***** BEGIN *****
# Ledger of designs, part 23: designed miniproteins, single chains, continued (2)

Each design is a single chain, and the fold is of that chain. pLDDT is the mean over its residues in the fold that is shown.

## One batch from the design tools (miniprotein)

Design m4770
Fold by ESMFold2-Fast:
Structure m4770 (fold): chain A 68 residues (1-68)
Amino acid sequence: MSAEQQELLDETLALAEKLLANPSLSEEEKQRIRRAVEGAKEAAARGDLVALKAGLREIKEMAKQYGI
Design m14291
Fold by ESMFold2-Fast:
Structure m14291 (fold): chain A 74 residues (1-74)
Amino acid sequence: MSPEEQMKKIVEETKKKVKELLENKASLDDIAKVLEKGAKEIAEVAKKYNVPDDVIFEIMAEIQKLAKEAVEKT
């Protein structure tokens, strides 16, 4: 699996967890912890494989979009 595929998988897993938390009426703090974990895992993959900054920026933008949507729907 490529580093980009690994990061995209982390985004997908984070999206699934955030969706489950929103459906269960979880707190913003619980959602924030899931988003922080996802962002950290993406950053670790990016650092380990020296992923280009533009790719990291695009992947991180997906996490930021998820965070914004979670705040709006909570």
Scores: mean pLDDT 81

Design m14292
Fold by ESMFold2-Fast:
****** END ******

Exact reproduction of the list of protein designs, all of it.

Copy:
# Ledger of designs, part 23: designed miniproteins, single chains, continued (2)

Each design is a single chain, and the fold is of that chain. pLDDT is the mean over its residues in the fold that is shown.

## One batch from the design tools (miniprotein)

Design m4770
Fold by ESMFold2-Fast:
Structure m4770 (fold): chain A 68 residues (1-68)
Amino acid sequence: MSAEQQELLDETLALAEKLLANPSLSEEEKQRIRRAVEGAKEAAARGDLVALKAGLREIKEMAKQYGI
Design m14291
Fold by ESMFold2-Fast:
Structure m14291 (fold): chain A 74 residues (1-74)
Amino acid sequence: MSPEEQMKKIVEETKKKVKELLENKASLDDIAKVLEKGAKEIAEVAKKYNVPDDVIFEIMAEIQKLAKEAVEKT
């Protein structure tokens, strides 16, 4: 699996967890912890494989979009 595929998988897993938390009426703090974990895992993959900054920026933008949507729907 490529580093980009690994990061995209982390985004997908984070999206699934955030969706489950929103459906269960979880707190913003619980959602924030899931988003922080996802962002950290993406950053670790990016650092380990020296992923280009533009790719990291695009992947991180997906996490930021998820965070914004979670705040709006909570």
Scores: mean pLDDT 81

Design m14292
Fold by ESMFold2-Fast: